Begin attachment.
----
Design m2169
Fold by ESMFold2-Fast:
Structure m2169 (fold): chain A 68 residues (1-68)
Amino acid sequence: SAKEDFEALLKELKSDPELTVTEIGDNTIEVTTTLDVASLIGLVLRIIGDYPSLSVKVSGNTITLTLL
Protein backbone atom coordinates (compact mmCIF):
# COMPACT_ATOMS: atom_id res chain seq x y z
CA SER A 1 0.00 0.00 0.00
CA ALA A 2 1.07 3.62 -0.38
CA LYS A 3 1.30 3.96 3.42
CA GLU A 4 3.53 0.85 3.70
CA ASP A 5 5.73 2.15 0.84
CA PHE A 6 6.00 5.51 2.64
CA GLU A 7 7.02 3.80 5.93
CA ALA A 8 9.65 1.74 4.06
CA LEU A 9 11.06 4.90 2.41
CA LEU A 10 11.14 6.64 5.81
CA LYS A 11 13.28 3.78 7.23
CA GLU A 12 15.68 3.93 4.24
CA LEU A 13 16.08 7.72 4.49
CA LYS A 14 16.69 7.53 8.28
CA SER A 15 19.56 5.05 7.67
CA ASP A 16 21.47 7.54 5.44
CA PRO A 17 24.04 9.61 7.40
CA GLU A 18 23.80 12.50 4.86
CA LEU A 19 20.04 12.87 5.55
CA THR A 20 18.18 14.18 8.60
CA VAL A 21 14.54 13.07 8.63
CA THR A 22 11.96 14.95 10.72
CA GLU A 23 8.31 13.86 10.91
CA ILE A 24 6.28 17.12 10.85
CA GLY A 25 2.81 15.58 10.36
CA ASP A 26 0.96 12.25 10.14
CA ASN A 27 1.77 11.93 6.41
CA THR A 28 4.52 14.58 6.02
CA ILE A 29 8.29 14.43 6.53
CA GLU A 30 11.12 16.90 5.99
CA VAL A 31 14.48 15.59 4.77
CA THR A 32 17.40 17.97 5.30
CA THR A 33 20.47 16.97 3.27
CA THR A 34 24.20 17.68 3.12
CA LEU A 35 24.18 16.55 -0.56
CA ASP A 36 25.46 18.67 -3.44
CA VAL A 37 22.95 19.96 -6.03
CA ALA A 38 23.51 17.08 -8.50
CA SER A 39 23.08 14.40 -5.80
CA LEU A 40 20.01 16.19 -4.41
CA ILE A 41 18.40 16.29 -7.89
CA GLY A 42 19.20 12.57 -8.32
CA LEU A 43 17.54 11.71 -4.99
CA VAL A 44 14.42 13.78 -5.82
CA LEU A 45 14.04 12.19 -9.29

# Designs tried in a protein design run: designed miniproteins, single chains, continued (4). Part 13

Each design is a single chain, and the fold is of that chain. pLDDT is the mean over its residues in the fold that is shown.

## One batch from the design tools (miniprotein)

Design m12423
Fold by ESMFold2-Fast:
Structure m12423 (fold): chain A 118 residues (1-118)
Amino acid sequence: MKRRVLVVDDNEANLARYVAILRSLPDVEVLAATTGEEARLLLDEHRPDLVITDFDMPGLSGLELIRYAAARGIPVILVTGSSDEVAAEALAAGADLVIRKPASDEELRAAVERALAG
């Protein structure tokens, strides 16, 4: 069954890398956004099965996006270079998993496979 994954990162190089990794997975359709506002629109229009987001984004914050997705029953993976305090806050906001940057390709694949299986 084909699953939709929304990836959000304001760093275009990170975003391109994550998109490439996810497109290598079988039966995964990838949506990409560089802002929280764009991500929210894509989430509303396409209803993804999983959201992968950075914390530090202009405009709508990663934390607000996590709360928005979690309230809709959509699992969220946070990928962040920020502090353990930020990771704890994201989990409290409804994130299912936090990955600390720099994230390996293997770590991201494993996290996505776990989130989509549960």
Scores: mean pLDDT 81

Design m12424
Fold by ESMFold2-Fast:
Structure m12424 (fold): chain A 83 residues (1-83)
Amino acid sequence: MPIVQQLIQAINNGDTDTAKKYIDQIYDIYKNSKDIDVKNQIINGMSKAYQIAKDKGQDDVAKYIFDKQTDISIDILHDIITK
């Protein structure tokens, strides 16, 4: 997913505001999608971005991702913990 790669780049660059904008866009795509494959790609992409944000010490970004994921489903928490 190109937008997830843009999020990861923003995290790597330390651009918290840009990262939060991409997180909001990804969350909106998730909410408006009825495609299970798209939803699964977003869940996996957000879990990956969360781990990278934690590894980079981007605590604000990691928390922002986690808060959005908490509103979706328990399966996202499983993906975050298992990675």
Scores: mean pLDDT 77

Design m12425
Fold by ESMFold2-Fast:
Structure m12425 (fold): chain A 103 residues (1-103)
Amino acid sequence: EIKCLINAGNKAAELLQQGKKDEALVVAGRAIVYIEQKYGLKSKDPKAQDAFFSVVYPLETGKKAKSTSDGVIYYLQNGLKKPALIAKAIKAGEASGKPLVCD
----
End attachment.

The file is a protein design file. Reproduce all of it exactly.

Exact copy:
Design m2169
Fold by ESMFold2-Fast:
Structure m2169 (fold): chain A 68 residues (1-68)
Amino acid sequence: SAKEDFEALLKELKSDPELTVTEIGDNTIEVTTTLDVASLIGLVLRIIGDYPSLSVKVSGNTITLTLL
Protein backbone atom coordinates (compact mmCIF):
# COMPACT_ATOMS: atom_id res chain seq x y z
CA SER A 1 0.00 0.00 0.00
CA ALA A 2 1.07 3.62 -0.38
CA LYS A 3 1.30 3.96 3.42
CA GLU A 4 3.53 0.85 3.70
CA ASP A 5 5.73 2.15 0.84
CA PHE A 6 6.00 5.51 2.64
CA GLU A 7 7.02 3.80 5.93
CA ALA A 8 9.65 1.74 4.06
CA LEU A 9 11.06 4.90 2.41
CA LEU A 10 11.14 6.64 5.81
CA LYS A 11 13.28 3.78 7.23
CA GLU A 12 15.68 3.93 4.24
CA LEU A 13 16.08 7.72 4.49
CA LYS A 14 16.69 7.53 8.28
CA SER A 15 19.56 5.05 7.67
CA ASP A 16 21.47 7.54 5.44
CA PRO A 17 24.04 9.61 7.40
CA GLU A 18 23.80 12.50 4.86
CA LEU A 19 20.04 12.87 5.55
CA THR A 20 18.18 14.18 8.60
CA VAL A 21 14.54 13.07 8.63
CA THR A 22 11.96 14.95 10.72
CA GLU A 23 8.31 13.86 10.91
CA ILE A 24 6.28 17.12 10.85
CA GLY A 25 2.81 15.58 10.36
CA ASP A 26 0.96 12.25 10.14
CA ASN A 27 1.77 11.93 6.41
CA THR A 28 4.52 14.58 6.02
CA ILE A 29 8.29 14.43 6.53
CA GLU A 30 11.12 16.90 5.99
CA VAL A 31 14.48 15.59 4.77
CA THR A 32 17.40 17.97 5.30
CA THR A 33 20.47 16.97 3.27
CA THR A 34 24.20 17.68 3.12
CA LEU A 35 24.18 16.55 -0.56
CA ASP A 36 25.46 18.67 -3.44
CA VAL A 37 22.95 19.96 -6.03
CA ALA A 38 23.51 17.08 -8.50
CA SER A 39 23.08 14.40 -5.80
CA LEU A 40 20.01 16.19 -4.41
CA ILE A 41 18.40 16.29 -7.89
CA GLY A 42 19.20 12.57 -8.32
CA LEU A 43 17.54 11.71 -4.99
CA VAL A 44 14.42 13.78 -5.82
CA LEU A 45 14.04 12.19 -9.29

# Designs tried in a protein design run: designed miniproteins, single chains, continued (4). Part 13

Each design is a single chain, and the fold is of that chain. pLDDT is the mean over its residues in the fold that is shown.

## One batch from the design tools (miniprotein)

Design m12423
Fold by ESMFold2-Fast:
Structure m12423 (fold): chain A 118 residues (1-118)
Amino acid sequence: MKRRVLVVDDNEANLARYVAILRSLPDVEVLAATTGEEARLLLDEHRPDLVITDFDMPGLSGLELIRYAAARGIPVILVTGSSDEVAAEALAAGADLVIRKPASDEELRAAVERALAG
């Protein structure tokens, strides 16, 4: 069954890398956004099965996006270079998993496979 994954990162190089990794997975359709506002629109229009987001984004914050997705029953993976305090806050906001940057390709694949299986 084909699953939709929304990836959000304001760093275009990170975003391109994550998109490439996810497109290598079988039966995964990838949506990409560089802002929280764009991500929210894509989430509303396409209803993804999983959201992968950075914390530090202009405009709508990663934390607000996590709360928005979690309230809709959509699992969220946070990928962040920020502090353990930020990771704890994201989990409290409804994130299912936090990955600390720099994230390996293997770590991201494993996290996505776990989130989509549960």
Scores: mean pLDDT 81

Design m12424
Fold by ESMFold2-Fast:
Structure m12424 (fold): chain A 83 residues (1-83)
Amino acid sequence: MPIVQQLIQAINNGDTDTAKKYIDQIYDIYKNSKDIDVKNQIINGMSKAYQIAKDKGQDDVAKYIFDKQTDISIDILHDIITK
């Protein structure tokens, strides 16, 4: 997913505001999608971005991702913990 790669780049660059904008866009795509494959790609992409944000010490970004994921489903928490 190109937008997830843009999020990861923003995290790597330390651009918290840009990262939060991409997180909001990804969350909106998730909410408006009825495609299970798209939803699964977003869940996996957000879990990956969360781990990278934690590894980079981007605590604000990691928390922002986690808060959005908490509103979706328990399966996202499983993906975050298992990675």
Scores: mean pLDDT 77

Design m12425
Fold by ESMFold2-Fast:
Structure m12425 (fold): chain A 103 residues (1-103)
Amino acid sequence: EIKCLINAGNKAAELLQQGKKDEALVVAGRAIVYIEQKYGLKSKDPKAQDAFFSVVYPLETGKKAKSTSDGVIYYLQNGLKKPALIAKAIKAGEASGKPLVCD